Upper Body Isometrics: Why and What You Can Do At Home

Isometrics are valuable for fitness and easy to incorporate into your home training routine.

What are isometrics?

They’re movements where your joints don’t move, and there isn’t a noticeable change in the length of your musculature.

Generally, when we think about isometric movements, we automatically think about plank holds, or maybe hollow body holds, or maybe even wall sits. But the isometric concept applies to pretty much any movement, including upper body pushing and pulling.

That’s on today’s agenda.

Why are isometrics useful for upper body strength work?

Isometric exercises allow you to be very joint position-specific, meaning they’re very effective at targeting specific areas of a movement, such as the last quarter of a pull-up, or the first quarter of a pull-up.

Another great example: If you’re weak at the bottom of a push-up, you can target that weak position with isometrics more effectively than just logging a lot of push-ups.

Or, let’s say you’re just learning how to do a pull-up. In this case, Isometrics are useful because they allow you to hold more weight than you can move. By this, I mean, even if you’re not yet strong enough to pull yourself from a dead hang hold position, you can still get huge value in jumping off a box until your chin is over the bar, and then holding isometrically in that position.

Finally, isometric movements tend to be very safe on the joints, because you’re not putting the same stress on your elbow, for example, as you would by doing a ton of pushing or pulling reps.

Let’s look at 7 simple bodyweight isometric movements you can do at home:

1. Doorway lateral raise

Stand in a doorway and extend your arms to the sides of the doorframe. Then press with the back of your hands into the doorframe as hard as you can—aiming for max effort contraction. Hold for 10 seconds. You should feel both your lats and your shoulders on fire.

5 sets of 10 second holds

2. Doorway pec fly

Stand in a staggered stance on one side of the doorway. Bring one arm out to the side and your elbow to the height of your shoulder. Then make sure your forearm is vertical. In this position, your bicep should be on the door frame, and your forearm resting on the wall beyond the doorway. You should effectively look as though you’re about to throw a baseball. From here, press into the wall as hard as you can and hold for two seconds. Repeat 10 times.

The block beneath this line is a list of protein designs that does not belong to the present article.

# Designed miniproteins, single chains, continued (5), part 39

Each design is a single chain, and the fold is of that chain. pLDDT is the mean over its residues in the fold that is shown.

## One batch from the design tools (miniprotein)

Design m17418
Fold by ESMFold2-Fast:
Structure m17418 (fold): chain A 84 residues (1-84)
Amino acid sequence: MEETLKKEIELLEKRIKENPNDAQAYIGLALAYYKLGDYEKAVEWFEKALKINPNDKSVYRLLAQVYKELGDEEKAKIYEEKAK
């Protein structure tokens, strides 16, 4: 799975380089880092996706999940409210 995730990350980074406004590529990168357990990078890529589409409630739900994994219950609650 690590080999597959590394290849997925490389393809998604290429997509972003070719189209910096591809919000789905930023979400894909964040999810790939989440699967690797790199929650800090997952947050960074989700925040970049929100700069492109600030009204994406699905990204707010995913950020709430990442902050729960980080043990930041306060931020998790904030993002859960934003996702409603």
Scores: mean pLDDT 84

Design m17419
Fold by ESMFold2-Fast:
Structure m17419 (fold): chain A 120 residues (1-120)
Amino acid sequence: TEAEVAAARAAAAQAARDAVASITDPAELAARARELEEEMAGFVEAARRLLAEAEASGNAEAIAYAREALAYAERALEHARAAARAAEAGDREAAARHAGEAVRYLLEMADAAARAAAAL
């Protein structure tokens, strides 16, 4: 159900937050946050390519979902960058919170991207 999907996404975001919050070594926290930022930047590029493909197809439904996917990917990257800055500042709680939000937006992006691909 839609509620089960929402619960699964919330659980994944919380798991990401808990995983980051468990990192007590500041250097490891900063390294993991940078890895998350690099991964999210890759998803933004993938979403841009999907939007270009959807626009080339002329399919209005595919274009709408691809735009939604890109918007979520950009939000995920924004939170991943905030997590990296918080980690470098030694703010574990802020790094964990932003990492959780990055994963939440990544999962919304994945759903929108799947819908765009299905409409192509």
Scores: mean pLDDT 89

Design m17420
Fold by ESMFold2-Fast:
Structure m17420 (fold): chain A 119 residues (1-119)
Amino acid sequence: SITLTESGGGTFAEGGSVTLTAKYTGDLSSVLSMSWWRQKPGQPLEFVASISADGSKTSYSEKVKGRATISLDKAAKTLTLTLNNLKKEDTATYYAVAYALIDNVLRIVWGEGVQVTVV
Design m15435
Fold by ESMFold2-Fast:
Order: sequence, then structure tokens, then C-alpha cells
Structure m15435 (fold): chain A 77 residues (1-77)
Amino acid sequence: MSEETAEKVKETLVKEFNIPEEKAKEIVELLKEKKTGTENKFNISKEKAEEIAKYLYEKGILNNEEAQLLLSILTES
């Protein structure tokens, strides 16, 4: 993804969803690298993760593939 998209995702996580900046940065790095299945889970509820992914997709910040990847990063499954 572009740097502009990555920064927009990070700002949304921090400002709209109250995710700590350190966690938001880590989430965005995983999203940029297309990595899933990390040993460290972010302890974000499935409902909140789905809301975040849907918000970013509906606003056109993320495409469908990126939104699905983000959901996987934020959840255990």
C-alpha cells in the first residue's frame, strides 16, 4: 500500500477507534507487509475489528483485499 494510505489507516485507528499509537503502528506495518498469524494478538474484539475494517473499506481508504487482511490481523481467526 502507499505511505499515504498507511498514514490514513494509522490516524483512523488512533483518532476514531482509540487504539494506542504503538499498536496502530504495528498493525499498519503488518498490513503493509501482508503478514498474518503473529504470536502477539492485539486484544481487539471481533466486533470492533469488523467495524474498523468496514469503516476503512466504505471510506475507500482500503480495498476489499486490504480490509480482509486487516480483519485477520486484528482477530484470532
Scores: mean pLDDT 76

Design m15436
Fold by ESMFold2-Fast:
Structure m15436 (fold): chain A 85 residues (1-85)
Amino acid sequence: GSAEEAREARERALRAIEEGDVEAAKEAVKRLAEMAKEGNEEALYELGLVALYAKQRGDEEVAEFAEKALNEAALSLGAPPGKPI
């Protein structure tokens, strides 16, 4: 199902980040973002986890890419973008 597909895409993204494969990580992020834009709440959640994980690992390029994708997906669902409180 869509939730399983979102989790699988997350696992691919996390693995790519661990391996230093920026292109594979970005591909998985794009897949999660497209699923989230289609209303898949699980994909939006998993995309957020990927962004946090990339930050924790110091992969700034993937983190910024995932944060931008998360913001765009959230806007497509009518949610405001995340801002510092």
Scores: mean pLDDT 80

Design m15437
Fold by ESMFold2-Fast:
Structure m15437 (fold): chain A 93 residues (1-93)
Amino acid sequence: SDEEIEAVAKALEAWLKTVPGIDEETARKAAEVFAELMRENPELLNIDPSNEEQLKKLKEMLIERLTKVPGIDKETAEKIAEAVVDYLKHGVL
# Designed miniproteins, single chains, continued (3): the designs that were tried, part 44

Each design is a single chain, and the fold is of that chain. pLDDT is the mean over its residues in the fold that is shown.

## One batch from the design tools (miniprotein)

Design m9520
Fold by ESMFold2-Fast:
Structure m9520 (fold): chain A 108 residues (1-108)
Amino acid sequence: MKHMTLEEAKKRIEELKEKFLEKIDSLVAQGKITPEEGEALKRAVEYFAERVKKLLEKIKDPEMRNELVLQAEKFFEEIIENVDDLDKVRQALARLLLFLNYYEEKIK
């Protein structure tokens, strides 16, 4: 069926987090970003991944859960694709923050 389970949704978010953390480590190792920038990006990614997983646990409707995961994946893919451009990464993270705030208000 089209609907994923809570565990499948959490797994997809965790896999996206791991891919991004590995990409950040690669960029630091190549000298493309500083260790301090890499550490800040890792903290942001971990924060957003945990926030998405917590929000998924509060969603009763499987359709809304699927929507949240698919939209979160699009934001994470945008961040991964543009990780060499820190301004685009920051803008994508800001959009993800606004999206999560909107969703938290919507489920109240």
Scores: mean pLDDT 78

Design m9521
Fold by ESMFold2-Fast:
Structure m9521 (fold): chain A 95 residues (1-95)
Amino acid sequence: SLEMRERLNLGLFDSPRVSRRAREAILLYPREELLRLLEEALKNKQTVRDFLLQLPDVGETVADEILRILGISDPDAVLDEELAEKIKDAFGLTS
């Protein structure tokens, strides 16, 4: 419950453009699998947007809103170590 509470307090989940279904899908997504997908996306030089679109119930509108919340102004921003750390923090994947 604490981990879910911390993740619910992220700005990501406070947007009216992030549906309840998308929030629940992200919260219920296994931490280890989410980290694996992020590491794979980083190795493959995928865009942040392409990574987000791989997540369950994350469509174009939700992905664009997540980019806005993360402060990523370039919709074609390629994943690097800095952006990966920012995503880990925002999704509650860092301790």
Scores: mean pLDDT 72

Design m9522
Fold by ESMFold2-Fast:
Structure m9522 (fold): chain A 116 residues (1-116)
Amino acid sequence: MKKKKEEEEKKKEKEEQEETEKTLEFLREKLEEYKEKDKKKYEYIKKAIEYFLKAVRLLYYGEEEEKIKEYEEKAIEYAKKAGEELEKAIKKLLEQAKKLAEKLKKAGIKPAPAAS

5 sets of 10 contractions with a two-second pause on each contraction.

3. TYIs

Laying face down, place your arms out to the side. Keep your elbows straight and raise your hands off the ground as if you’re making the letter T with your arms and body.

TYI Movement T
TYI Movement T

Hold for five seconds. Lower your arms and raise your arms so they’re at a 45 degree angle, effectively forming the letter Y. Raise your arms again, keeping your elbows straight and hold for five seconds. Relax again and bring your hands straight overhead.

TYI Movement Y
TYI Movement Y

Raise your arms off the floor again, keeping the elbows straight and hold again for five seconds, focusing on getting as long as possible as if you’re forming a capital I. These will tax your lats and your shoulders.

TYI Movement I
TYI Movement I

5 sets of 3 reps of each position—T, Y, I—with a 5 second hold at the top of each rep.

You can do these with just your bodyweight, or try them with a small amount of weight, such as a 2.5 lb. plate, or an object of a similar weight.

4. Wall press

Get into a split stance and drop into a half lunge. Then place your hands on the wall at chest height. Lean into the wall and push as hard as you can. The deeper you get into the lunge position, the more you will feel this in your shoulders. If you stay more upright, you’ll feel it more in your chest.

5 sets of 10 second holds.

5.. Tricep wall press

Assume the same lunge position as above. Place your fist on the wall at head height. Your forearms should also be touching the wall. Use your triceps to push your fists into the wall and hold for 10 seconds.

5 sets of 10 second holds.

6. Two-position isometric pull variation hold

Find something table that holds your bodyweight: A thick tree branch, a railing, a pull-up bar that sits in your doorway. Or you can use a table and turn these into an inverted chest to table holds, similar to an inverted barbell row.

Then hold with your chin over the treen branch or pull-up bar of sorts—your chest to the table if you chose that option—for 10-20 seconds. After you hold for 10-20 seconds, lower until your arms are at a 90 degree angle and then hold for another 10-20 seconds. The holds in these two positions make up one rep.

5 sets of 2 reps. Rest 30 seconds between reps.

7. Two-position isometric push variation hold

Depending on your level, you can do these as box push-ups, where you place your hands on a box, or push-ups with your hands on the floor, or handstand push-ups if you’re able to.

Start at the top of the push-up and descend halfway until your arms are at a 90 degree angle. Hold for 10 seconds, then lower until your chest is hovering one inch off the ground or box, or your head is hovering one inch from the ground. Hold for another 10 seconds. Both positions make up one rep.

5 sets of 2 reps. Rest 30 seconds between reps.

Two more tips:

1. Squeeze as hard as you can: The harder you squeeze your muscles, and the more tension you build throughout your body, the more you’ll get out of isometric movements. The point: Make it hurt.

2. Breathe: Don’t hold your breath. Keep breathing as you’re holding and squeezing. With each inhale, think about filling a balloon just behind your belly button. And as you exhale, push the air out of your nose and hang on for a count of five.